Neil M. Richards has been installed as the inaugural Koch Distinguished Professor of Law at Washington University in St. Louis. A ceremony and reception were held last October to mark the occasion.
What is it like to teach immigration law during an immigration crisis? Not easy. Katie Herbert Meyer, director of the Immigration Clinic at the law school, discusses the major challenges.
The United States needs a “Defender General” — a public official charged with representing the collective interests of criminal defendants before the Supreme Court of the United States, argues a new article co-authored by Daniel Epps, professor of law at Washington University in St. Louis School of Law.
The spring session of the Public Interest Law & Policy Speakers Series kicks off at 3 p.m. Friday, Jan. 17, in Anheuser-Busch Hall, with a chat with constitutional experts Erwin Chemerinsky, dean of the School of Law at University of California, Berkeley, and Lyrissa Lidsky, dean of the University of Missouri School of Law, discussing the future of free speech.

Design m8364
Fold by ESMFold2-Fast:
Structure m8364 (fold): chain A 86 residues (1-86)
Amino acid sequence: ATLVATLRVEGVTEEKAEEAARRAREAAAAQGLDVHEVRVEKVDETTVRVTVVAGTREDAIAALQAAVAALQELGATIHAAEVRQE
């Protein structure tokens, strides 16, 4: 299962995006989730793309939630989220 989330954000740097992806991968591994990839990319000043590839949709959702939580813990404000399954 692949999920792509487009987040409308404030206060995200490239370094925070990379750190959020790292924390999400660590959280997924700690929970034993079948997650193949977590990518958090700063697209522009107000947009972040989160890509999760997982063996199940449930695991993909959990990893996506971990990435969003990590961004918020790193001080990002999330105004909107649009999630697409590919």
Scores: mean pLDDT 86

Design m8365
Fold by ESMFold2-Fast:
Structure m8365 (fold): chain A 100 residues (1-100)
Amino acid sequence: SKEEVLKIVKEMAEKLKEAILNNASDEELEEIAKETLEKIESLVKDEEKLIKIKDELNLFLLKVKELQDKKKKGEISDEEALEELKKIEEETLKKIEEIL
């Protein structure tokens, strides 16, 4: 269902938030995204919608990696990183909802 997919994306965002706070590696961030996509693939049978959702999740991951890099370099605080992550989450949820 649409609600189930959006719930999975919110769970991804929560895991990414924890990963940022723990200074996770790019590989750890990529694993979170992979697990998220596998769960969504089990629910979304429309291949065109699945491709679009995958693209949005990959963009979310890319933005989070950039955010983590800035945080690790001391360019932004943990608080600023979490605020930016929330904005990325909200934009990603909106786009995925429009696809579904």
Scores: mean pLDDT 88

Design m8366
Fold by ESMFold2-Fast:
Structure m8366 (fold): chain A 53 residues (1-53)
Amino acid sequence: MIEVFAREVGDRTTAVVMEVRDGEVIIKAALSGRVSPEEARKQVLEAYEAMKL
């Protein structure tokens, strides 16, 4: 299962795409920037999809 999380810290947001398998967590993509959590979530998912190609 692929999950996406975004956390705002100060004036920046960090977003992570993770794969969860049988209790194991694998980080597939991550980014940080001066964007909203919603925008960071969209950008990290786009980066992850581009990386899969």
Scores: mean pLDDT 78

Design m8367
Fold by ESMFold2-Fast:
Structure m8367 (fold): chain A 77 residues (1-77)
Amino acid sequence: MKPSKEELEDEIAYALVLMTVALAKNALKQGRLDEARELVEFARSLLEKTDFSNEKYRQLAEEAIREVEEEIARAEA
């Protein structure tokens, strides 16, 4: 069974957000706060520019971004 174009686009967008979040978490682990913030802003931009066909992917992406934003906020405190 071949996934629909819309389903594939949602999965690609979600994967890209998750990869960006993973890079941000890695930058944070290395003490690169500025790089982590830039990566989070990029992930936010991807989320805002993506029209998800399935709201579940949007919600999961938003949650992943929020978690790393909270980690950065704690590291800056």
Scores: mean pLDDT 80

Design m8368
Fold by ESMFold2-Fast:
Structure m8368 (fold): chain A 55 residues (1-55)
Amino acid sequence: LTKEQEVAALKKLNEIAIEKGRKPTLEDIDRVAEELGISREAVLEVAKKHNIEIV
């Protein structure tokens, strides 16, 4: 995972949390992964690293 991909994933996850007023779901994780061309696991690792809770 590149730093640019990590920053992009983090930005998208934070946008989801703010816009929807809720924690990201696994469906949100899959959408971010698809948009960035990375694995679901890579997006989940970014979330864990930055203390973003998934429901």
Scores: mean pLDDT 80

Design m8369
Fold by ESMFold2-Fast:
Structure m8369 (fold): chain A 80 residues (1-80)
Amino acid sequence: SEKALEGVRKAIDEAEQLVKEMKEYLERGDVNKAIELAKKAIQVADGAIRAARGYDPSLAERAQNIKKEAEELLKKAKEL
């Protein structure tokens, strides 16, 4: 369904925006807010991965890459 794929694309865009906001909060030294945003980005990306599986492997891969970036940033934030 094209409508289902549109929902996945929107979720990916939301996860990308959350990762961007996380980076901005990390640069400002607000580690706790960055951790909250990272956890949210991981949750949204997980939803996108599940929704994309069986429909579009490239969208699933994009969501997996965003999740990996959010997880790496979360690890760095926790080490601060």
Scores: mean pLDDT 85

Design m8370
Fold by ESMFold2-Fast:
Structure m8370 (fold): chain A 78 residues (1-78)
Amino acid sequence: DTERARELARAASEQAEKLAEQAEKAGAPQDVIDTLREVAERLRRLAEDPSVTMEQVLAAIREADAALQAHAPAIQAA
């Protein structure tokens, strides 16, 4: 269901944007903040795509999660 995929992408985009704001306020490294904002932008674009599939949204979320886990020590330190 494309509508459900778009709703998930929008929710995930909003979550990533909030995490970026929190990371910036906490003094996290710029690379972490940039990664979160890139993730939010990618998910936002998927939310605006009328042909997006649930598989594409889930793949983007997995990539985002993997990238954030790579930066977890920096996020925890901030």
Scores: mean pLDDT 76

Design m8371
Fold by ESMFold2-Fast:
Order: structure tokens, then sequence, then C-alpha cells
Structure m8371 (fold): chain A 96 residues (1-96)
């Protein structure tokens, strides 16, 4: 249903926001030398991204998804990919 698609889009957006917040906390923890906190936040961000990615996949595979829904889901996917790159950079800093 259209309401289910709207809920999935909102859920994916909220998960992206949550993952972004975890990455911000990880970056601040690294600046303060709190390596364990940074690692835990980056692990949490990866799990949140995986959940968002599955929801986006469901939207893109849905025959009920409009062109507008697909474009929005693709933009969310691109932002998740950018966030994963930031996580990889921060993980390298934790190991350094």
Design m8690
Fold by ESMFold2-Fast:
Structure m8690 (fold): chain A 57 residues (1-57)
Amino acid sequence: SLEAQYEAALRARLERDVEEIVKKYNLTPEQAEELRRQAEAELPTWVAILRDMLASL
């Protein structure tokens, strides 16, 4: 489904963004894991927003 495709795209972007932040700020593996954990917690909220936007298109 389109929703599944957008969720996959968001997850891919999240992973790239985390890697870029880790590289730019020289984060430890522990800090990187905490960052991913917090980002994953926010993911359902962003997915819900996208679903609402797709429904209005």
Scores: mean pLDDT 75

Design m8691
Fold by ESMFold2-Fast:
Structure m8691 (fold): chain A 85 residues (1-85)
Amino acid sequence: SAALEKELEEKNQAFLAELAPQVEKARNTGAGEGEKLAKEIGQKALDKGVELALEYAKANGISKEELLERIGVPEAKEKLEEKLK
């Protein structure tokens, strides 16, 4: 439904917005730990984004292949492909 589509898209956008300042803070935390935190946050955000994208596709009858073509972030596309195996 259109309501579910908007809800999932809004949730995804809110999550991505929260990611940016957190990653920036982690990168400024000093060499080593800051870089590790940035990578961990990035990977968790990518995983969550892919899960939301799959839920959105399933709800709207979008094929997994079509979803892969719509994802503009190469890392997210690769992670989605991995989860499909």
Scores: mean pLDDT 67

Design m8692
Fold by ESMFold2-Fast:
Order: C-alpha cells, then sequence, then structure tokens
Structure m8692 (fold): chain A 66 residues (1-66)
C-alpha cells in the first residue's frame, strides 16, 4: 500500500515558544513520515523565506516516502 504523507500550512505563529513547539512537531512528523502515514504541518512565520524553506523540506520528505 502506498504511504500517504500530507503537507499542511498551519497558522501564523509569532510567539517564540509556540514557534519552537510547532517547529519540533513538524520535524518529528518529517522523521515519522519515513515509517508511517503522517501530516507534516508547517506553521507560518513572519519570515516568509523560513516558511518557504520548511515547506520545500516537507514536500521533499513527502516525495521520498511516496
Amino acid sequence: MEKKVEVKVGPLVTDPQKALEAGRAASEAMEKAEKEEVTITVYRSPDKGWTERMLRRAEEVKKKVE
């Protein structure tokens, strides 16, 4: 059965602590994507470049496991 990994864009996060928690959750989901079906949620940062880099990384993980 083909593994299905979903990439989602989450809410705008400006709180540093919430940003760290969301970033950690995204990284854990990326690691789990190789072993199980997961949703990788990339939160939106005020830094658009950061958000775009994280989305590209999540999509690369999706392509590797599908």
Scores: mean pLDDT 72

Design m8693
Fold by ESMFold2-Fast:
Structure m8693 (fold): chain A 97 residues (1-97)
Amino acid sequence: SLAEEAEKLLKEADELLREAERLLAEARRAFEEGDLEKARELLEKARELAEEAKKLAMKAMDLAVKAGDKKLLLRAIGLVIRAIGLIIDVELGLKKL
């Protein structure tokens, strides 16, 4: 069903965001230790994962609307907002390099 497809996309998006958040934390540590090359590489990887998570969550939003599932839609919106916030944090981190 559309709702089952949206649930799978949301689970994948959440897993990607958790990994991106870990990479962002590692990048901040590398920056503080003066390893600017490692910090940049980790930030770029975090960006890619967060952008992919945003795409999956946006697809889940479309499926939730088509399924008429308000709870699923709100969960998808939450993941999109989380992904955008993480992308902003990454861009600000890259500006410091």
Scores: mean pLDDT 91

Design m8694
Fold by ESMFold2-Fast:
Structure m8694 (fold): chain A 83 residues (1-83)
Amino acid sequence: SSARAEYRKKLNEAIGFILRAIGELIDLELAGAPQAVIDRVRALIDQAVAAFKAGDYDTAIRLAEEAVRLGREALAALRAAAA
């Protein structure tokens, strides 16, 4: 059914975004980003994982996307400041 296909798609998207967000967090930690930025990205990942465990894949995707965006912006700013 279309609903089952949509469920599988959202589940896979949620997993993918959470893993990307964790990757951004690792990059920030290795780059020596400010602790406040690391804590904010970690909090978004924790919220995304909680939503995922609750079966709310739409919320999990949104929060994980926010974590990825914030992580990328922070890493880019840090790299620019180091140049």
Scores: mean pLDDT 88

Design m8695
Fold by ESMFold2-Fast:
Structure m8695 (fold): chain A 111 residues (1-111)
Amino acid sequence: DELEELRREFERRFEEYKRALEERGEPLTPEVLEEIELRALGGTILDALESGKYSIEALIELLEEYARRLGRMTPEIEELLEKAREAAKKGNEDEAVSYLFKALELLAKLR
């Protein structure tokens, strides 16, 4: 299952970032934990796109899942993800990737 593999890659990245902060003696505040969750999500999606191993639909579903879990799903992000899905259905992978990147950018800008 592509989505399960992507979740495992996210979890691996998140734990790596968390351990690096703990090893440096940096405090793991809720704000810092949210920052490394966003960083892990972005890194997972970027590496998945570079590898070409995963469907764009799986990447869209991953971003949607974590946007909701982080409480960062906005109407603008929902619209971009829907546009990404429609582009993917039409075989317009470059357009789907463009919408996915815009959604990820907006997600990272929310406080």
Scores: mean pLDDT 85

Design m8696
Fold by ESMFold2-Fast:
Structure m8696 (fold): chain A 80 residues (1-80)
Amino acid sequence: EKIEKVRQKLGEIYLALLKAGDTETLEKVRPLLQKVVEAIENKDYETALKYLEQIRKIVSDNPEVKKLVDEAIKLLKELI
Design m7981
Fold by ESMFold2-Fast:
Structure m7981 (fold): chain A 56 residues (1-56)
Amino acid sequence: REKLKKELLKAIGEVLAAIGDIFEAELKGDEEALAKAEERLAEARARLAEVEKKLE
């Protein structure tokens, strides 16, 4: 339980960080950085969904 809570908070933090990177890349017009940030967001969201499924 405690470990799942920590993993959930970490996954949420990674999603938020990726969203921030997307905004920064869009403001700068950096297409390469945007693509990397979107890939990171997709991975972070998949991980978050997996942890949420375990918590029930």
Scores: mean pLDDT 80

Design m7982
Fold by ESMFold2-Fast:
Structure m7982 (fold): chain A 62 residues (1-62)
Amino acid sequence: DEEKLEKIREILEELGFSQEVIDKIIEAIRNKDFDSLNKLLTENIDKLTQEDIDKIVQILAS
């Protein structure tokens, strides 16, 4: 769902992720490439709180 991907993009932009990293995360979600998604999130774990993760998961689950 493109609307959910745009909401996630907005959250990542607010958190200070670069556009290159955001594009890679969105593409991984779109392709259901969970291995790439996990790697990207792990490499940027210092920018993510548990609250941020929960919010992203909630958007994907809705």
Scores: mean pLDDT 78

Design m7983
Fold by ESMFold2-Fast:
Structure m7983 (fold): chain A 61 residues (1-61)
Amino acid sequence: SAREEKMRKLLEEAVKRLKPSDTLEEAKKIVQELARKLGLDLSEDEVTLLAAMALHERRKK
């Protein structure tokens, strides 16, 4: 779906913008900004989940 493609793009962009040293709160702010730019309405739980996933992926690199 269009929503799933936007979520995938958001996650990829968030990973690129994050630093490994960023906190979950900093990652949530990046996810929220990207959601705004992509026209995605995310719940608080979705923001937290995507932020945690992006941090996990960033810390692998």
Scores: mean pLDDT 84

Many questions remain following the Jan. 3 death of Qassem Soleimani and Iran’s potential retaliation. Chief among them: Was the strike legal? “Unless there is much more to the story than meets the eye, the answer seems to be no,” said Leila Sadat, director of the Whitney R. Harris World Law Institute and an expert on international criminal law.
Ronald Levin, the William R. Orthwein Distinguished Professor of Law at Washington University, has received the American Bar Association Administrative Law Section’s 2019 “Award for Best Scholarship” in the field published in 2018.
A recent paper from Neil Richards, the Koch Distinguished Professor in Law at the Washington University School of Law, has been named one of five winners of the Future of Privacy Forum’s 10th Annual Privacy Papers for Policymakers Award.
America needs an internet privacy bill but Congressional inaction could force states into adopting an Americanized version of Europe’s General Data Protection Regulation. That’s a move that would be insufficient and ineffective, argues a leading privacy law expert at Washington University in St. Louis.
Reappropriation — by which a group of people reclaims words or artifacts that were previously used in a way disparaging of that group — can tame uncivil discourse, finds a new study by political scientists and a law professor at Washington University in St. Louis.
Under principles of free speech, anyone — such as Chinese state television — is entitled to hold their view of anything, including the scope of freedom of speech, says Gregory Magarian, as Constitutional law expert at Washington University in St. Louis School of Law.